Compost bin at 20° Outside and 100° Inside November 20, 2022
“Egad” you are probably thinking, “He is writing about compost again. Surely his brain is starting to rot.” This article is not exactly about compost but close. In Stevens County we have a “Soil Health Stewards” group hosted by the Conservation Districts. You can check it out or join on Google Groups. email@example.com. Recently Greg Deponte posted a link to a video on youtube where Dr. David Johnson and his wife and soil research partner Hui-Chun Su talk about their bio-reactor. This sounds like a science fiction device but there are actually many variations already in use.
I had heard of their bio-reactor before. It has been around for over a decade. But this talk was particularly energizing for me because of all the information they included beyond how to build and use a bio-reactor. I will mention some details about construction but want to start as Dr. Johnson did with some notes on the current health of the world’s soils and their relation to human health. (You can watch the video yourself by searching for “Static Pile Fungal Compost Presentation”.) Here are some bullet points:
- The earth is losing soil at 10 times the rate of soil formation
- One ton of soil per acre is about the thickness of a piece of paper
- 40% of our original topsoil is all we have left
- 60% of the world’s aquifers are being depleted faster than they can recharge
- Farming takes 10 times as much fossil fuel energy as the food energy it produces.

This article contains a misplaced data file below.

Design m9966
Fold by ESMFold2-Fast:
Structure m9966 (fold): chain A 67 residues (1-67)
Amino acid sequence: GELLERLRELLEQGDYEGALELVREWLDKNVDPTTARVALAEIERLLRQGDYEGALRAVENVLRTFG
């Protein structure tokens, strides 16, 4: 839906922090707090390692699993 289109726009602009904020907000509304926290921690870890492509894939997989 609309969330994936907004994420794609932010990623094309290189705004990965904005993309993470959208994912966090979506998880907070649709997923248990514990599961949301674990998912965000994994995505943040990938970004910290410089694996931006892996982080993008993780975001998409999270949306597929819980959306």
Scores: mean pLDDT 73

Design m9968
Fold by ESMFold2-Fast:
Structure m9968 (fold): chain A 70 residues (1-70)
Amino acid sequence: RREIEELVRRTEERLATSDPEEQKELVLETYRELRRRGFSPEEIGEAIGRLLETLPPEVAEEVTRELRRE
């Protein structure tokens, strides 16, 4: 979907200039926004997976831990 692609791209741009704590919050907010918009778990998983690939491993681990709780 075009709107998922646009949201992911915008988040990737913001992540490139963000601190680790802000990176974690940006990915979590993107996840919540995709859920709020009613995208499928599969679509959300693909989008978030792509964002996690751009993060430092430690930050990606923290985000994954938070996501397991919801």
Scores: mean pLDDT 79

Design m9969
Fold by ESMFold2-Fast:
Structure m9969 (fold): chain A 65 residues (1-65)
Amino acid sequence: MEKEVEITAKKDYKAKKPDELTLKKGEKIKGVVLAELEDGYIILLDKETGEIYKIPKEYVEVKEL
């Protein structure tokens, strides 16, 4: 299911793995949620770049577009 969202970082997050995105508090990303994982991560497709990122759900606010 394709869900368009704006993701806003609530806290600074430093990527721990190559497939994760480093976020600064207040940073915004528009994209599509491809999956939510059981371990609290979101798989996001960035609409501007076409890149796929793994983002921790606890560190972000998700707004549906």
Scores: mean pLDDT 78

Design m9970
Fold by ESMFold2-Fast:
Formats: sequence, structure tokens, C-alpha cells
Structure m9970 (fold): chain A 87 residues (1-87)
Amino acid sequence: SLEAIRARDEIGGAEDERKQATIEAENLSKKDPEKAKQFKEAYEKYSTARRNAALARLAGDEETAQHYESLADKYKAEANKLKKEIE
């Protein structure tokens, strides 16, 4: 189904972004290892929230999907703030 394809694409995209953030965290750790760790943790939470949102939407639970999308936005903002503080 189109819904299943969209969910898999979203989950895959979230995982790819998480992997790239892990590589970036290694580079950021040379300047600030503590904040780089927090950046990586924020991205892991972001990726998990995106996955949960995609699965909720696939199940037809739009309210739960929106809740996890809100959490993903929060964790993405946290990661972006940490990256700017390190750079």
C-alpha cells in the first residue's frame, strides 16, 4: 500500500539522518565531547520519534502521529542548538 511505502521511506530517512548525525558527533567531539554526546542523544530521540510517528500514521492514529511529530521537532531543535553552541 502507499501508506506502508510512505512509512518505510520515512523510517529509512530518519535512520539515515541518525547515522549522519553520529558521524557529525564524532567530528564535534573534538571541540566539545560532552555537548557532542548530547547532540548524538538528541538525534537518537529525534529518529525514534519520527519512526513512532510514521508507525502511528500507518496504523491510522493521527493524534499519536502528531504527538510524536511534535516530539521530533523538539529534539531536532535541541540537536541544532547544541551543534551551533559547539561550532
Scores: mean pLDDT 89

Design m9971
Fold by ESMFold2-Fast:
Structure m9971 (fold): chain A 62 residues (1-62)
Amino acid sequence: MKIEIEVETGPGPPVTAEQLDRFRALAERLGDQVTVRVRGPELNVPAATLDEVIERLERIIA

- 70% to 90% of nitrogen and phosphorous fertilizer goes into rivers and lakes.
- We have about 110 documented dead zones (in the ocean) on this planet and they’re all related to the agricultural systems that we’re using right now.
- We have 156 species of herbicide resistant plants.
- In 1975 the chances were about 1 in 5,000 you’d have a child with autism, it’s one in 59 in 2018 (not causation but at least correlation)
- We’ve seen an 80% to 90% reduction in the nutrient values of food
This talk might seem like it is beginning to be one giant bummer. But actually it is just the opposite. Johnson goes on to show that all of these problems are totally unnecessary if we would just start creating soil health with biology instead of chemicals. Not only that but he demonstrates that these methods can increase production 5 to 25 times, even on played out soil.
He takes some time to describe the evolution of biology on planet earth pointing out that microbes have dramatically altered the gases in the air, the carbon in the soil and their own bio-diversity over billions of years. This section emphasizes that diversity, energy efficiency, community and abundance always go hand in hand and evolve to reinforce each other, not just in the world of microbes but in above ground crops as well. Two key points are that microbes can remediate chemically poisoned soil and that the higher the proportion there is of fungi to bacteria, the healthier the soil becomes.